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Trademark Infringement Suit Transferred from D.C. to Florida on Defendant’s Rule 12(b)(3) Motion to Dismiss for Improper Venue
Delta Sigma Theta Sorority, Inc. v. Bivins
In this trademark infringement suit, the plaintiff, Delta Sigma Theta Sorority, Inc. (“Plaintiff” or “sorority”), sought to enjoin the defendants, Letisha D. Bivins (“Bivins”), Alphonso D. Goins (“Goins”), and FratHouse Clothing, LLC (“FratHouse”) (collectively, “the defendants”), from selling merchandise that allegedly infringed upon its registered trademarks, as well as to recover damages from the defendants. Defendants Bivins and Goins filed a Joint Motion to Dismiss pursuant to Federal Rules of Civil Procedure 12(b)(2) for lack of personal jurisdiction; 12(b)(3) for improper venue; and 12(b)(6), for failure to state a claim against Defendant Bivins. The Court granted the motion in part, on the grounds that the venue in the District of Columbia was improper, and transferred the case to the Middle District of Florida. Because the Court found venue to be improper, the Court did not address or resolve the parties’ arguments regarding lack of personal jurisdiction or failure to state a claim. Those portions of the defendants’ joint motion were denied without prejudice so that defendants could refile, if appropriate, in the Florida court.
FratHouse operated a clothing business in Naples, Florida, for which business they maintain a website. The sorority alleged that the FratHouse had engaged in the sale of merchandise bearing the sorority’s trademarks without authorization. The Court had previously allowed jurisdictional discovery as to venue and jurisdictional issues.
The burden was on the plaintiff to establish that venue was proper. All three (3) defendants were residents of the Middle District of Florida, specifically, the city of Naples, Florida. Venue was not proper under 28 U.S.C. § 1391(b)(1), since none of the defendants resided in the District, and also under § 1391(b)(3), since all defendants resided in Florida, making venue available in another district, namely, the Middle District of Florida. Thus, the plaintiff was required to show that venue was proper in the District under 28 U.S.C. § 1391(b)(2), which provides that “[a] civil action may be brought in—(2) a judicial district in which a substantial part of the events or omissions giving rise to the claim occurred, or a substantial part of property that is the subject of the action is situated.”
During the period of jurisdictional discovery authorized by the Court, the plaintiff uncovered the total number of transactions and sales allegedly infringing upon the plaintiff’s marks. In total, the plaintiff discovered that only ten (10) of the defendants’ total transactions since they started operating their business—out of 733 total transactions, or 1.3 percent of the defendants’ sales—were shipped or billed to addresses within the District of Columbia. Only two (2) of those transactions involved goods bearing the allegedly infringing marks. One of those purchases was made by a member of the sorority. The other purchase was cancelled and payment authorization was reversed.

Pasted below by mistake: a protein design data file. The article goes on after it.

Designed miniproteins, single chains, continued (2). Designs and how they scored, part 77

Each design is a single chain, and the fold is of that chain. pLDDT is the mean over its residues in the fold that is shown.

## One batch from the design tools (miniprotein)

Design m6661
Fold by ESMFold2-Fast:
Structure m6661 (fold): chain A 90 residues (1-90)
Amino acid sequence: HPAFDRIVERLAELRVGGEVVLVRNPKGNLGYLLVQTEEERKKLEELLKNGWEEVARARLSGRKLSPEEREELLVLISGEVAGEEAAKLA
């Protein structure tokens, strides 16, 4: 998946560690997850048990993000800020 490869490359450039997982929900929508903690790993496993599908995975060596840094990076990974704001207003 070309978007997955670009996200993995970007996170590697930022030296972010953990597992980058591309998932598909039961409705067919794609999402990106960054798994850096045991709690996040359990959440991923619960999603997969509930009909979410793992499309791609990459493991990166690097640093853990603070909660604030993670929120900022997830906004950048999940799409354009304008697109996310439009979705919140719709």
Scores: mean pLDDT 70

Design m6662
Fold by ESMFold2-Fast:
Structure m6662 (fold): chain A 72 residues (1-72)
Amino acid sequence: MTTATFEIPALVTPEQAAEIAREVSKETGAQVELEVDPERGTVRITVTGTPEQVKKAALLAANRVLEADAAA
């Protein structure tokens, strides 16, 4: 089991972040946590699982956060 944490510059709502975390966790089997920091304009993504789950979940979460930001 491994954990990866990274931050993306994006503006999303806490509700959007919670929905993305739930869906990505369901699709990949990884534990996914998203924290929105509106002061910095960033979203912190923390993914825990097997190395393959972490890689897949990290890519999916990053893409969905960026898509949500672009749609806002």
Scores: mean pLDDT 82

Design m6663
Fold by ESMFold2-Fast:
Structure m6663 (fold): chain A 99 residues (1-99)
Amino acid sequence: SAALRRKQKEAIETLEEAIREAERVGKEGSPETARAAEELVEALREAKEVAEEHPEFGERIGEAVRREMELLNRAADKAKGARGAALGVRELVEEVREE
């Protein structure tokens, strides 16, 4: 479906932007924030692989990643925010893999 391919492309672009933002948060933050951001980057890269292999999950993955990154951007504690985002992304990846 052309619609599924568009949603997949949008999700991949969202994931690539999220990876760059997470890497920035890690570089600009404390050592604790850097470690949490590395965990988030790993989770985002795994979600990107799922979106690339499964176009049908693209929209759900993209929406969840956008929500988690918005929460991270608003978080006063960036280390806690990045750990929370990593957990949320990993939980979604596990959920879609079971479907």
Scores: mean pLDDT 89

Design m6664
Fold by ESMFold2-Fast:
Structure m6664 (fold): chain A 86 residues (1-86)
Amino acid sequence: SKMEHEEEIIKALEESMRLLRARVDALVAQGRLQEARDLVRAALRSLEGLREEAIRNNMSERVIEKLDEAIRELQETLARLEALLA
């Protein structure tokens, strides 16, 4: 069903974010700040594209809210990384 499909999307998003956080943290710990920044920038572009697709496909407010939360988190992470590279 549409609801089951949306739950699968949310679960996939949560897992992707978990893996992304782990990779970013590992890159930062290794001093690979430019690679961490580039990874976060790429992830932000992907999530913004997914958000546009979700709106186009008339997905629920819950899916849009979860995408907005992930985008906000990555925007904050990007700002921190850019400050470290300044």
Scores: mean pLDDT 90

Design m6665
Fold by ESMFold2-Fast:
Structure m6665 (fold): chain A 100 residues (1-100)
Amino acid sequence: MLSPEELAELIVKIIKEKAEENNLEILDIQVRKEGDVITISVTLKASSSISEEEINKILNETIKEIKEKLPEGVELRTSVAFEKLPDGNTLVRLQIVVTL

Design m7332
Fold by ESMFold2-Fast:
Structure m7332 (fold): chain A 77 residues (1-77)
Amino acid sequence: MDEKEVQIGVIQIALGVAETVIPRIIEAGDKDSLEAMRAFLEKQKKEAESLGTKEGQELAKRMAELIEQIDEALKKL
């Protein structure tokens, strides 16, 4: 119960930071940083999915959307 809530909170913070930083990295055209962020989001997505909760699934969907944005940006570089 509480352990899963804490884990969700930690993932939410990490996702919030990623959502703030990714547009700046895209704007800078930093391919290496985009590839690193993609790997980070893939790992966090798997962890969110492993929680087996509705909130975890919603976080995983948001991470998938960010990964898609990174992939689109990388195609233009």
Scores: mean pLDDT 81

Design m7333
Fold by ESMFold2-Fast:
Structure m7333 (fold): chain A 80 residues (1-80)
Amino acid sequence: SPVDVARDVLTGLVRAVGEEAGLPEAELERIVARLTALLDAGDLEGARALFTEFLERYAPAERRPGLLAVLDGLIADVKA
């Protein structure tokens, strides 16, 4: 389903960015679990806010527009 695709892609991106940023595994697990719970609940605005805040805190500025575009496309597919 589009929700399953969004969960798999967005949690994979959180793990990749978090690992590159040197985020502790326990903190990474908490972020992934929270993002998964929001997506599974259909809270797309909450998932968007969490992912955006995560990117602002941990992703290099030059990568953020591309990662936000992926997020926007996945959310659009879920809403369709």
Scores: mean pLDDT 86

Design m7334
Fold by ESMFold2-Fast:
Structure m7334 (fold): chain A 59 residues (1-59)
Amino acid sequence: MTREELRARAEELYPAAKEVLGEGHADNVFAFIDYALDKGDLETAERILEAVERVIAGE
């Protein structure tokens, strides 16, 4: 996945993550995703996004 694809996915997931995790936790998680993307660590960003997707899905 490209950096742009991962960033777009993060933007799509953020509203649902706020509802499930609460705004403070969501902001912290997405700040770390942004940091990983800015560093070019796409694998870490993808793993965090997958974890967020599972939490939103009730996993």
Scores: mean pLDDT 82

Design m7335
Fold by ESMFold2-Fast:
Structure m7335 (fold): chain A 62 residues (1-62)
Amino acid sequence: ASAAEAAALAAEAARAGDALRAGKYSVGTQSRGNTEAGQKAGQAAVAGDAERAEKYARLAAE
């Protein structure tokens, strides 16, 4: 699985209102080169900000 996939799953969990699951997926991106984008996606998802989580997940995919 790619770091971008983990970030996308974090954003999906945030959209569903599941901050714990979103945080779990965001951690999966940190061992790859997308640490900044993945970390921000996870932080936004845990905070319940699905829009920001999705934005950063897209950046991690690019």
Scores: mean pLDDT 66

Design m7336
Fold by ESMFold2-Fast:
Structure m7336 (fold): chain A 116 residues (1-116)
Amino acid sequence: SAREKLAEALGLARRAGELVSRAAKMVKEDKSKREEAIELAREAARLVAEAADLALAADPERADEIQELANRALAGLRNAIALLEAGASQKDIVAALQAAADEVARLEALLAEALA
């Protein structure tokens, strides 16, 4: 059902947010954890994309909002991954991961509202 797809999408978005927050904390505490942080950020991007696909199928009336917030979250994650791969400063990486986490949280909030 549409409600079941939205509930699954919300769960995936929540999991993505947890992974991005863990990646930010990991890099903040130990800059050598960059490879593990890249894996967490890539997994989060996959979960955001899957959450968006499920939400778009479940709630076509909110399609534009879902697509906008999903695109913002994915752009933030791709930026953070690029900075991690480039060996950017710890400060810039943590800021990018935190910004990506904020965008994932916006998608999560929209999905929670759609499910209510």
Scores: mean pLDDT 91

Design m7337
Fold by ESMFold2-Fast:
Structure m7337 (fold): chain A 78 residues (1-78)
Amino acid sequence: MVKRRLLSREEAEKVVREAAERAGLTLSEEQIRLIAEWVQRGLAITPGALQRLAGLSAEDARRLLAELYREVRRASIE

The Court turned to Noxell Corp. v. Firehouse No. 1 Bar-B-Que Restaurant, 760 F.2d 312 (D.C. Cir. 1985) which also involved the intersection of trademark infringement and venue. The Noxell Court had noted that when considering a plaintiff’s choice of venue, “the convenience of the defendant (but not of the plaintiff)” was an appropriate factor to take into account. In Noxell, less than 1.5 percent of the California defendant’s product had been sold in the District of Columbia, with 40 percent of the defendant’s sales occurring in California. Requiring the defendant to litigate in D.C. and some 3,000 miles away from where all employees and corporate records were located exceeded inconvenience and was a hardship upon defendants.
Here, an even smaller percentage of the defendants’ product was sold in the District of Columbia than in Noxell—i.e., only 0.2 percent. The sorority conceded that it brought suit in D.C. solely for its own convenience, which ran directly counter to the venue statute’s “inten[t] to protect defendants.” Further, the sorority did not show any non-Internet advertising engaged in by the defendants, and, failed to show that the Internet advertising—primarily on social media sites—was aimed at D.C. Otherwise, any company with a generally accessible website would be vulnerable to a Lanham Act claim in any district of the United States—a result that would “eviscerate” the protection of the general venue statute.
In sum, and after jurisdictional discovery, the Plaintiff failed to uncover evidence sufficient to show that a substantial part of the events giving rise to the plaintiff’s claim occurred in this district, and failed to show that venue was proper in the District of Columbia under any prong of 28 U.S.C. § 1391(b). The Court exercised its discretion, however, and transferred the case to the Middle District of Florida, since the “interest of justice generally requires transferring a case to the appropriate judicial district in lieu of dismissal.”
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